'The Bridge': An intimate view into Obama's life

Tower.com photoTower.com photoSpanning not only Barack Obama’s political life but also his personal life, David Remnick begins with Obama’s origins and ends with the political world of 2010 in his biography “The Bridge: The Life and Rise of Barack Obama.”

Remnick starts with the story of Obama’s father, tracing his origins to Africa and the program that transported him to the U.S. for a college education. While in Hawaii, Obama’s father met his mother, a white woman raised in the continental U.S., and they had Barack.

By now, the majority of the American public knows about Obama’s family history and his ethnicity, but Remnick labors on to discuss his elementary and high school days, describing Obama’s likes and dislikes, complete with interviews with Obama’s friends and teachers.

He then writes about Obama’s rise in the ranks at Occidental College, Columbia University and Harvard University, introducing the leader in Obama when he talks about Obama becoming president of the Harvard Law Review.

The second half of the book is dedicated to Obama work as a community organizer, his time in the Senate, and his sequential presidential race.

Remnick also talks about the history of U.S. civil rights and the people who prepared the way for Obama, including Bobby Rush, Malcolm X, and other black as well as white politicians.
An intense chapter of the book talks about the competition between Obama and Hillary Clinton to capture the Democratic nomination, including the unforeseen problems in Clinton’s campaign and other things that helped Obama to win the majority needed to become the nominee.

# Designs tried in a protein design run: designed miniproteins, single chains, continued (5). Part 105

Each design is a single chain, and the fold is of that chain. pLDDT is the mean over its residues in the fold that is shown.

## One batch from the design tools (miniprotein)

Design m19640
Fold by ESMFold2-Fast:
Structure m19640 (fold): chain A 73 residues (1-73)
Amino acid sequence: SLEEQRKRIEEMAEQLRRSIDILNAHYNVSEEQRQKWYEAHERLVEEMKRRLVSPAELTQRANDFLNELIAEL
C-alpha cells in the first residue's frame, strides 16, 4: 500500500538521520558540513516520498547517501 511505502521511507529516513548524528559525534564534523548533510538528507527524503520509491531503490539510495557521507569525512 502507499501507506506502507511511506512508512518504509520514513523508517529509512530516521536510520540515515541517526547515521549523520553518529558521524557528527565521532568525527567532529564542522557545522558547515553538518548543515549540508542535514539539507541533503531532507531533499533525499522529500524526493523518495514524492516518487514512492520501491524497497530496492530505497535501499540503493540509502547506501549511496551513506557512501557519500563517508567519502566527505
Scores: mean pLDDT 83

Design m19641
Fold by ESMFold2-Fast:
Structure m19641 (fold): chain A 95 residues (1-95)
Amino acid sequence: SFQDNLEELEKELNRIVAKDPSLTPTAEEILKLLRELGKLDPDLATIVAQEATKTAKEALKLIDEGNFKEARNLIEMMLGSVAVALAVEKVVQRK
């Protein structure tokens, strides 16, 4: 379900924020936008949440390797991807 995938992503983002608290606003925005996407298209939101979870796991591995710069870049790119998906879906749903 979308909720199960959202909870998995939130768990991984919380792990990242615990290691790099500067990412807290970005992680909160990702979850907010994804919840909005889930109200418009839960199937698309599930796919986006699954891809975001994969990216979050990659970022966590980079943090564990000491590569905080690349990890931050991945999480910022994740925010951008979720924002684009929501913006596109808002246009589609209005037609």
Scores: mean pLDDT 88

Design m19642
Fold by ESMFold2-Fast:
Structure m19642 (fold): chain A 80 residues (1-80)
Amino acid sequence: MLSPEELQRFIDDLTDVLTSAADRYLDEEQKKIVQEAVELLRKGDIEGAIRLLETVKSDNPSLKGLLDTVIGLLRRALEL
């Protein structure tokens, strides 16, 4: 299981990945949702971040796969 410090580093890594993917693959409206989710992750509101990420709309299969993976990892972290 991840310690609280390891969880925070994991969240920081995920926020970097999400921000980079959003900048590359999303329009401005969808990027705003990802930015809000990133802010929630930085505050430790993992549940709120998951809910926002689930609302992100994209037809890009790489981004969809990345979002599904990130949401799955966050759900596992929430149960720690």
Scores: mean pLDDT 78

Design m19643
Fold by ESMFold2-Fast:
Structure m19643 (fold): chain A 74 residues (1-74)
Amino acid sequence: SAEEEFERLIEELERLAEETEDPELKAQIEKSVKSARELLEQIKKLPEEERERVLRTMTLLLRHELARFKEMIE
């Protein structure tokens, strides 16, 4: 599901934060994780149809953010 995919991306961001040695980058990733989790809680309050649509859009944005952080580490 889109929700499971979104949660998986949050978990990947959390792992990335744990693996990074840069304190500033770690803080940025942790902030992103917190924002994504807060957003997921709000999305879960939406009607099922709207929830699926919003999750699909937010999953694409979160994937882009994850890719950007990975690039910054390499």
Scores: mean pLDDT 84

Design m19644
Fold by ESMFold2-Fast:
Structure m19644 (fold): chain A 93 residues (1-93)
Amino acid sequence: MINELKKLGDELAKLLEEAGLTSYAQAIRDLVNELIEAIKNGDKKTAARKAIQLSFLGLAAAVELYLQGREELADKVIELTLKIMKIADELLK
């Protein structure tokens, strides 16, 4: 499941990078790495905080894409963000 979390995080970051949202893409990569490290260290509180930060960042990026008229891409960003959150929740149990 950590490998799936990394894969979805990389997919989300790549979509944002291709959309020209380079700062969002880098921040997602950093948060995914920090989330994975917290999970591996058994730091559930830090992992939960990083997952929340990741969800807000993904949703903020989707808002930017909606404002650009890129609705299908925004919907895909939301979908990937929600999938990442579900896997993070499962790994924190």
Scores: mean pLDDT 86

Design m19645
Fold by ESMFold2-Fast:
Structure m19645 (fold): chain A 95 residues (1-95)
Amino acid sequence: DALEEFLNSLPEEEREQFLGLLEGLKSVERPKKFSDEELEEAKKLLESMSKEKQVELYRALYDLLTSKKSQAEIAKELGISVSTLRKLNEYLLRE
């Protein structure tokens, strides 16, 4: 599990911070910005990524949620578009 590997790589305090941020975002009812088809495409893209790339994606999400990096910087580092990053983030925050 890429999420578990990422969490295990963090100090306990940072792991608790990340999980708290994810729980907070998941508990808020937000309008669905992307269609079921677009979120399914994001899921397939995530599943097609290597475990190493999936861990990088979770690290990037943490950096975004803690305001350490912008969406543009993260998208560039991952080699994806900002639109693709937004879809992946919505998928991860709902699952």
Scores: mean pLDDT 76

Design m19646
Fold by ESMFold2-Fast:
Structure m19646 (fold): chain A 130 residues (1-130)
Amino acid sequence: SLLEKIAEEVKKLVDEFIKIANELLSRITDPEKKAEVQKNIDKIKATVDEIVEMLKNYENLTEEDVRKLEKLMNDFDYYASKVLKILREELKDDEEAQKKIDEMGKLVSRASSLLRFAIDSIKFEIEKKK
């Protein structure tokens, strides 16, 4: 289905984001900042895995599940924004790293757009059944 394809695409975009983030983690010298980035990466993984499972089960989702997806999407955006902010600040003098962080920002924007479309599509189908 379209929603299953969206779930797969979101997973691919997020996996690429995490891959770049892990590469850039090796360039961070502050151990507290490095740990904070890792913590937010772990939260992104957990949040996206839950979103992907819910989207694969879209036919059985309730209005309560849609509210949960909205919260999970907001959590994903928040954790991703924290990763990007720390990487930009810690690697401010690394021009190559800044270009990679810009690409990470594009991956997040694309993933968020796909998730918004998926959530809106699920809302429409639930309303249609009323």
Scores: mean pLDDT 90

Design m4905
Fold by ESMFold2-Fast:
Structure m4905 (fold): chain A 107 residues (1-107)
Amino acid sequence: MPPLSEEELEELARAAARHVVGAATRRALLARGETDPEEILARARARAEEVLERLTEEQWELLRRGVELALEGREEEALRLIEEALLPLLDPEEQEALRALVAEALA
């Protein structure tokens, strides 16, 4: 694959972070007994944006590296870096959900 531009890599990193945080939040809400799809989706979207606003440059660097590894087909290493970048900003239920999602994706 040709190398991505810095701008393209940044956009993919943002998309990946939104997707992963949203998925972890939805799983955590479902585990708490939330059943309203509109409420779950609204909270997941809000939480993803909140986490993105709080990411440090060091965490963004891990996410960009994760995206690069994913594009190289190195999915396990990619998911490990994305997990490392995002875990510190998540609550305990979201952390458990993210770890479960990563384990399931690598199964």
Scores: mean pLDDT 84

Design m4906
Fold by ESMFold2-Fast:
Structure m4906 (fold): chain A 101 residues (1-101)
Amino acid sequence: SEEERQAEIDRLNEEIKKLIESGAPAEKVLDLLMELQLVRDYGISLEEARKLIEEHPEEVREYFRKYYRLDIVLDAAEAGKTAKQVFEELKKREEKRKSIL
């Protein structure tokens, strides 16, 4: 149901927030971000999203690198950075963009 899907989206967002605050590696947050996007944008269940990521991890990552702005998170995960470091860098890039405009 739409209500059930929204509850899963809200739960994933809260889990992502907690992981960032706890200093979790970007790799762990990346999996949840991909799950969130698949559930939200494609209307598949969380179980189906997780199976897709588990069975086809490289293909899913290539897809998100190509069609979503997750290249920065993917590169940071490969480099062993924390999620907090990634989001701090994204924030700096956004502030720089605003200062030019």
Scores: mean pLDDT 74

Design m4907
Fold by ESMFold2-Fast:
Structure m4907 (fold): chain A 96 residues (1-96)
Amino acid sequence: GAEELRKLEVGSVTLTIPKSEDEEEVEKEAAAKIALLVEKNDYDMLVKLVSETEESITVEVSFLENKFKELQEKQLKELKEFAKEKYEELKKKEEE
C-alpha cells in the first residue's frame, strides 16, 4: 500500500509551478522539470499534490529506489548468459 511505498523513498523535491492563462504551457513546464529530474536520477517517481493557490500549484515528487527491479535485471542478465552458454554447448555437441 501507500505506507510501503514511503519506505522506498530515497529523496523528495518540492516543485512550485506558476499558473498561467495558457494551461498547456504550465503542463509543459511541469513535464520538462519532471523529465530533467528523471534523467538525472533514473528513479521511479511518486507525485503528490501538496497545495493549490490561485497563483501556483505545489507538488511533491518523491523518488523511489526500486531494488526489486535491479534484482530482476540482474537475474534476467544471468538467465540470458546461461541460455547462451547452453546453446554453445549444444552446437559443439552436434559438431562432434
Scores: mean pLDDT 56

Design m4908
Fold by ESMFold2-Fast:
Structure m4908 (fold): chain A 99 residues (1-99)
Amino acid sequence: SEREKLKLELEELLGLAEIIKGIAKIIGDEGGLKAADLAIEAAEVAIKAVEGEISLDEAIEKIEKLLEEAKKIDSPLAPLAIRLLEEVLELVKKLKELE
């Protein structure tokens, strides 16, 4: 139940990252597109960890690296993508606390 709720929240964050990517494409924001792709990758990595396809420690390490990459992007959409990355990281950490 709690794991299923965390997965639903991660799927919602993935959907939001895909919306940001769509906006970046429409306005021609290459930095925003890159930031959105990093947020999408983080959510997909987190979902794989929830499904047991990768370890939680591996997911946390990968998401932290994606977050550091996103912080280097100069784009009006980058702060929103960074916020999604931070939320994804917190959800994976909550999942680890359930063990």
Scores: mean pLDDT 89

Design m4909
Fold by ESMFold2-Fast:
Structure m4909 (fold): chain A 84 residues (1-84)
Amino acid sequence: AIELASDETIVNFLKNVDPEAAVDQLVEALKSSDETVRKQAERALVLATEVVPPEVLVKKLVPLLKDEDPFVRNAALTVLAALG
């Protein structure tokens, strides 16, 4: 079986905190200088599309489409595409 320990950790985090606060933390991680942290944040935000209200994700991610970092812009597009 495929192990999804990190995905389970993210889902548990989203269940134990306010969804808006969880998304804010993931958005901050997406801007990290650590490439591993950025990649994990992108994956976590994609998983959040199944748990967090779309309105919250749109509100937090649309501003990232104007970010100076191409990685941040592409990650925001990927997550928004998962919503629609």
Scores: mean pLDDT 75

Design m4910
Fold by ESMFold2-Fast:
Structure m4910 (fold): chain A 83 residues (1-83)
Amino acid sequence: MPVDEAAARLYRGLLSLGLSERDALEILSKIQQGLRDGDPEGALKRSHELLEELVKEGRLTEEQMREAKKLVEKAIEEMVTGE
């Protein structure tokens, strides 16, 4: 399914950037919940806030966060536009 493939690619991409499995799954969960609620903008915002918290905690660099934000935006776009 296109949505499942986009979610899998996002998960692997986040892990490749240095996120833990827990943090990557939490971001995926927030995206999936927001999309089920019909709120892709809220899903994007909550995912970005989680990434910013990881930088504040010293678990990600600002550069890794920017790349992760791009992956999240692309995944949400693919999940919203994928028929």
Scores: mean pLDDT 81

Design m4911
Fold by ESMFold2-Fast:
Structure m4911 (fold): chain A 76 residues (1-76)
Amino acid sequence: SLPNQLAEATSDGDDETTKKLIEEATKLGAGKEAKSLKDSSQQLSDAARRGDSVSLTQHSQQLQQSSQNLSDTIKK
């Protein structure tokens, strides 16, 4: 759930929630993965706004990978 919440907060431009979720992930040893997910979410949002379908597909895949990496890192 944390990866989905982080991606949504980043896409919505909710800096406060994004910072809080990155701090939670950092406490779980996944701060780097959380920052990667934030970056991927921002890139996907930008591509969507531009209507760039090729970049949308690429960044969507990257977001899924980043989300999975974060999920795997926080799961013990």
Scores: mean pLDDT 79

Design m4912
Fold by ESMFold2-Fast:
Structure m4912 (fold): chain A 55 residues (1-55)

The rest of the book explains his presidential race and what he has done as president thus far in his first two years.

Remnick’s biography is extremely informative and has numerous sources, including Obama himself, which lends a kind of credibility to the account that gives the reader the sense that they themselves are speaking with Obama.

His book shows off the professional as well as the personal side of Obama, from how he decorated the Oval Office to his feelings on race and education.

Throughout the biography there is the feeling that the United States is on the brink of something awesome and new, and that Obama is not only part of it, but also the embodiment of it.

Remnick ends on an opposite note, describing the loss of the Democratic majority and what that means for the Obama Administration: “At least for the moment, politics in America seemed at a rude standstill. Obama’s ‘story’ would not help him now. The liberal prospect, which had seemed so broad in 2008, had suddenly narrowed.”

One would like to believe, however, that the future remains broad and that anything can be done with hope, something that Obama himself believes in in his book, “The Audacity of Hope: Thoughts on reclaiming the American Dream.”